Characteristics of patients included and enrolled in studies on the prognostic value of serum biomarkers for prediction of postconcussion symptoms following a mild traumatic brain injury: A systematic review

Eric Mercier, Pier Alexandre Tardif, Marcel Emond, Marie Christine Ouellet, Élaine De Guise, Biswadev Mitra, Peter Cameron, Natalie Le Sage

Research output: Contribution to journalReview ArticleResearchpeer-review

9 Citations (Scopus)


Objective Mild traumatic brain injury (mTBI) has been insufficiently researched, and its definition remains elusive. Investigators are confronted by heterogeneity in patients, mechanism of injury and outcomes. Findings are thus often limited in generalisability and clinical application. Serum protein biomarkers are increasingly assessed to enhance prognostication of outcomes, but their translation into clinical practice has yet to be achieved. A systematic review was performed to describe the adult populations included and enrolled in studies that evaluated the prognostic value of protein biomarkers to predict postconcussion symptoms following an mTBI. Data sources Searches of MEDLINE, Embase, CENTRAL, CINAHL, Web of Science, PsycBITE and PsycINFO up to October 2016. Data selection and extraction Two reviewers independently screened for potentially eligible studies, extracted data and assessed the overall quality of evidence by outcome using the Grading of Recommendations Assessment, Development and Evaluation approach. Results: A total of 23 298 citations were obtained from which 166 manuscripts were reviewed. Thirty-six cohort studies (2812 patients) having enrolled between 7 and 311 patients (median 89) fulfilled our inclusion criteria. Most studies excluded patients based on advanced age (n=10 (28%)), neurological disorders (n=20 (56%)), psychiatric disorders (n=17 (47%)), substance abuse disorders (n=13 (36%)) or previous traumatic brain injury (n=10 (28%)). Twenty-one studies (58%) used at least two of these exclusion criteria. The pooled mean age of included patients was 39.3 (SD 4.6) years old (34 studies). The criteria used to define a mTBI were inconsistent. The most frequently reported outcome was postconcussion syndrome using the Rivermead Post-Concussion Symptoms Questionnaire (n=18 (50%)) with follow-ups ranging from 7 days to 5 years after the mTBI. Conclusions: Most studies have recruited samples that are not representative and generalisable to the mTBI population. These exclusion criteria limit the potential use and translation of promising serum protein biomarkers to predict postconcussion symptoms.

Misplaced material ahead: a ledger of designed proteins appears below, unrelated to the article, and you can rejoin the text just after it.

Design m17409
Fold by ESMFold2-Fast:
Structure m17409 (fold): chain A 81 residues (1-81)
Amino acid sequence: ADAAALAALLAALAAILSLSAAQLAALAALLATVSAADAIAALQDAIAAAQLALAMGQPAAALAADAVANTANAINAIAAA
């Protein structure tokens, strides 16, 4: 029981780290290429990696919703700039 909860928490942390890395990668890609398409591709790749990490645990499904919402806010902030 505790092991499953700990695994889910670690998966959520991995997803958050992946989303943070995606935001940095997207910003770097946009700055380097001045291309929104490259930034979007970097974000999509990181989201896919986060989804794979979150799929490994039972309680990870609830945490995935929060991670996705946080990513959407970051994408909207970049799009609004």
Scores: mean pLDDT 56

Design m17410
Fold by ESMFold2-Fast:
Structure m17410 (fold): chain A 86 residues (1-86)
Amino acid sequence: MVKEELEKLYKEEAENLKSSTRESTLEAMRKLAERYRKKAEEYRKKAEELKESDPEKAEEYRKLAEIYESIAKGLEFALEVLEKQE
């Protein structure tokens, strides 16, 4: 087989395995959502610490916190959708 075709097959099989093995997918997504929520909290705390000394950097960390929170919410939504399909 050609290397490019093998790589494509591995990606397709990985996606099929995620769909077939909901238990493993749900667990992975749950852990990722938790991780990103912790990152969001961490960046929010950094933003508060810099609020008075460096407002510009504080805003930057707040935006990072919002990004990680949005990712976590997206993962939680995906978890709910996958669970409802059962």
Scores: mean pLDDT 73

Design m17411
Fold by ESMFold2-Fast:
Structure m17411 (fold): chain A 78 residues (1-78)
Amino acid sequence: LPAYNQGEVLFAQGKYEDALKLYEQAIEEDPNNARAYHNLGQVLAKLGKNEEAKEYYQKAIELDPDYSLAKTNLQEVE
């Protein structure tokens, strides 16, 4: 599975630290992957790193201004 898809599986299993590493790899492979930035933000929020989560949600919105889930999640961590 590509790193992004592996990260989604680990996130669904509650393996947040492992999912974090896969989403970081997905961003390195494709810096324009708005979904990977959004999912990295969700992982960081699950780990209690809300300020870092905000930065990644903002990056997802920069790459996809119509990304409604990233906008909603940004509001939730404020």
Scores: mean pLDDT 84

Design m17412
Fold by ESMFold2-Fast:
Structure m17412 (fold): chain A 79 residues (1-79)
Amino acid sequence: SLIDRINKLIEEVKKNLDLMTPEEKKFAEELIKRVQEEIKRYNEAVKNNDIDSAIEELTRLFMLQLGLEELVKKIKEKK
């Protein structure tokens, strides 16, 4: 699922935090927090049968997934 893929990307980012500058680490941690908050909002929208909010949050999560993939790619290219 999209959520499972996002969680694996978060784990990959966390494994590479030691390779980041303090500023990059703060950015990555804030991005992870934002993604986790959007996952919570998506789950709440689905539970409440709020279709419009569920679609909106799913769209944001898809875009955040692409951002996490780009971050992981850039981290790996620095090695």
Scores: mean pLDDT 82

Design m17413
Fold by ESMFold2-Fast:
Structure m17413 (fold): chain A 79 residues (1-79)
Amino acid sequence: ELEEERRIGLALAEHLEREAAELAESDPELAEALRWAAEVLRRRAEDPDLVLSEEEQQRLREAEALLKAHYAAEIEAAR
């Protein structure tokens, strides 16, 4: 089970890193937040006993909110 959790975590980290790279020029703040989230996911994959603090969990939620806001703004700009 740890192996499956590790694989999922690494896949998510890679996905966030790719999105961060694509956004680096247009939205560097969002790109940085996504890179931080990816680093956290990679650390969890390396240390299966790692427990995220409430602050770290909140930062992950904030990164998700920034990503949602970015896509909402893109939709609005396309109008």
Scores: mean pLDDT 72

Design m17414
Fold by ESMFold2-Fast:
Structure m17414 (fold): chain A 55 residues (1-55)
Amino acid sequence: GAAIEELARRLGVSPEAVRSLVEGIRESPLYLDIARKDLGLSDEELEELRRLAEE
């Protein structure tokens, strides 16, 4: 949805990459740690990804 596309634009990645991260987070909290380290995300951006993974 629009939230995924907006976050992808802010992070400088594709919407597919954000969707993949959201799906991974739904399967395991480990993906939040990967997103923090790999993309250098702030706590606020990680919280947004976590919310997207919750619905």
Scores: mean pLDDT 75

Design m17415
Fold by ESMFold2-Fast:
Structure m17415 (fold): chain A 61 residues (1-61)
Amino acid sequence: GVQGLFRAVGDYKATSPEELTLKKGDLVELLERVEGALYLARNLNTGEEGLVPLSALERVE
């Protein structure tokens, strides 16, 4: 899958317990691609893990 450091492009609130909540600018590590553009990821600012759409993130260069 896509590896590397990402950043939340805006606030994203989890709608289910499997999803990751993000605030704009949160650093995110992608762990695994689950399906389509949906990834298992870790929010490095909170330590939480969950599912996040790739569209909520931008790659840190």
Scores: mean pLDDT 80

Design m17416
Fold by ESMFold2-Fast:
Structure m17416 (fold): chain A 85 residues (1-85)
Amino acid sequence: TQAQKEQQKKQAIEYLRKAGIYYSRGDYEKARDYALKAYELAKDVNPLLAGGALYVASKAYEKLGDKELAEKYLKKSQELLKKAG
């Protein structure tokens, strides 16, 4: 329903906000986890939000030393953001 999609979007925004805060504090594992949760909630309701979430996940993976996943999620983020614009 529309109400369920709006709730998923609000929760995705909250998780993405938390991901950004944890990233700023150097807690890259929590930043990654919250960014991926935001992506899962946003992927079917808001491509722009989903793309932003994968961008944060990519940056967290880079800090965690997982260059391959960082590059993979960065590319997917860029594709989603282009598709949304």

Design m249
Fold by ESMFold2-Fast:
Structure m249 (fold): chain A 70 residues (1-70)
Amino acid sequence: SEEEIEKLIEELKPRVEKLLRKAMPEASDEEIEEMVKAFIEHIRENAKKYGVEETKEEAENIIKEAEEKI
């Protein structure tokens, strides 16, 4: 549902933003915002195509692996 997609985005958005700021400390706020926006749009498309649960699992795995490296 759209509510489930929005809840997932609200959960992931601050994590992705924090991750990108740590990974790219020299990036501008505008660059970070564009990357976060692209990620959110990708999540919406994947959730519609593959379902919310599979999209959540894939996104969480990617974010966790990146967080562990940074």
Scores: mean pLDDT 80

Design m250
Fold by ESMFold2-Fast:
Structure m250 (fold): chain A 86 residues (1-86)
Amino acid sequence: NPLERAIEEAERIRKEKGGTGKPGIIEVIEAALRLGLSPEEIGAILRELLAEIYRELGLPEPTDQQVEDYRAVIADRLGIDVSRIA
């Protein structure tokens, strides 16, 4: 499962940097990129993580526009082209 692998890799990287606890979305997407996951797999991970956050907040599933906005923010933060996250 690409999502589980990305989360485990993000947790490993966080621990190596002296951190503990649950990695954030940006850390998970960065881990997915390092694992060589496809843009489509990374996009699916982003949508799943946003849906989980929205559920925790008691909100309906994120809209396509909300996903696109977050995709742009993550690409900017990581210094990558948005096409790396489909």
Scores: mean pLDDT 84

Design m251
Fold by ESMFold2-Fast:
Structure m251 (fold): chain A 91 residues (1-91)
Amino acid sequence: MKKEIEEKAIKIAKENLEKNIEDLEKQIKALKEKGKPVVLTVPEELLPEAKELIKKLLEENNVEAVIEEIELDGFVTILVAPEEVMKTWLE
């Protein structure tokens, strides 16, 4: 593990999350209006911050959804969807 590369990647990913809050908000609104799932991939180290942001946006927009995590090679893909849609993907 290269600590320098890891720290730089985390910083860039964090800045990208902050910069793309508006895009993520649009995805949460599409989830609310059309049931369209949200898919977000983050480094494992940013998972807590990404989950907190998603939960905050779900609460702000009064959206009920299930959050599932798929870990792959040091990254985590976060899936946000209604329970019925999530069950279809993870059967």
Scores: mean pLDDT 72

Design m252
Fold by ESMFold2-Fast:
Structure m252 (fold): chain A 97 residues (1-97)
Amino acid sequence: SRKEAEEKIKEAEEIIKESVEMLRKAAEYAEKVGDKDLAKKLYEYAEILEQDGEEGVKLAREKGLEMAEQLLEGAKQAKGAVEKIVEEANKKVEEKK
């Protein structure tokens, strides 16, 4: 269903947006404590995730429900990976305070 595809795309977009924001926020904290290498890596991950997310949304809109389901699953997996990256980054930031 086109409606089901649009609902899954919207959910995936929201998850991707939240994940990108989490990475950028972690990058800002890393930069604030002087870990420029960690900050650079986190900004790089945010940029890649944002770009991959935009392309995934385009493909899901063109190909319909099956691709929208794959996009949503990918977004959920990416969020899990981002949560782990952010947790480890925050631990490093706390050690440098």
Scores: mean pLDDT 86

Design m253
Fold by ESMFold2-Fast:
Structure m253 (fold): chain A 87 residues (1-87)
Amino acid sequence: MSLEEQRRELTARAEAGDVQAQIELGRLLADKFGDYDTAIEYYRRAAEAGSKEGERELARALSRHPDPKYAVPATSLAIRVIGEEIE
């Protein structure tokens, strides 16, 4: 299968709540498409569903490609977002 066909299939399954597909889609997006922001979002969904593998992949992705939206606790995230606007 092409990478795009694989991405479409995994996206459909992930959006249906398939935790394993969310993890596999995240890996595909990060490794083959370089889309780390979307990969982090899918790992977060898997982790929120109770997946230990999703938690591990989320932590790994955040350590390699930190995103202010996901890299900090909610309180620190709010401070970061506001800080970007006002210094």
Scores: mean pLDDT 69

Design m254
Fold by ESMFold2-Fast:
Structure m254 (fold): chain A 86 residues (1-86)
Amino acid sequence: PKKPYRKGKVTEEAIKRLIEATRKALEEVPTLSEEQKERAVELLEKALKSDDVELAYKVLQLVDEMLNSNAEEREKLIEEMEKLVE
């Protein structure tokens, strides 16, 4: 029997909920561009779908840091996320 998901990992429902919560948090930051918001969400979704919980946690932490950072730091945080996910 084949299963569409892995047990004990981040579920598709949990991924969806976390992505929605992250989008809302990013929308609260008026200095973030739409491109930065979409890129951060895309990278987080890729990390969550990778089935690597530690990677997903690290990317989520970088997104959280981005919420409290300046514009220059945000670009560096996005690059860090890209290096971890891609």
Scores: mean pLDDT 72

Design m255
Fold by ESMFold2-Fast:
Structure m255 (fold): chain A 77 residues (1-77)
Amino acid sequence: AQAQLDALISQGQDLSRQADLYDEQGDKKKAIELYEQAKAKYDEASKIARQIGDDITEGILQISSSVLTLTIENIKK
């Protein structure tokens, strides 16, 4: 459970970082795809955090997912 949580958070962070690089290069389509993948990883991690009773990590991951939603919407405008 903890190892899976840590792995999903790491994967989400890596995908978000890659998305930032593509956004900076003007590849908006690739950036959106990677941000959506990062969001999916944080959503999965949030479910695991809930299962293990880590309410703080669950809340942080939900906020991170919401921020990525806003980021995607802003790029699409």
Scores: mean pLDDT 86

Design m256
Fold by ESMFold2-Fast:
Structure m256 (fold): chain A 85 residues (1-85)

Original languageEnglish
Article numbere017848
Number of pages10
JournalBMJ Open
Issue number9
Publication statusPublished - 1 Sept 2017


  • Biomarkers
  • Post-concussion symptoms
  • Post-concussion syndrome
  • Systematic review
  • Traumatic brain injury

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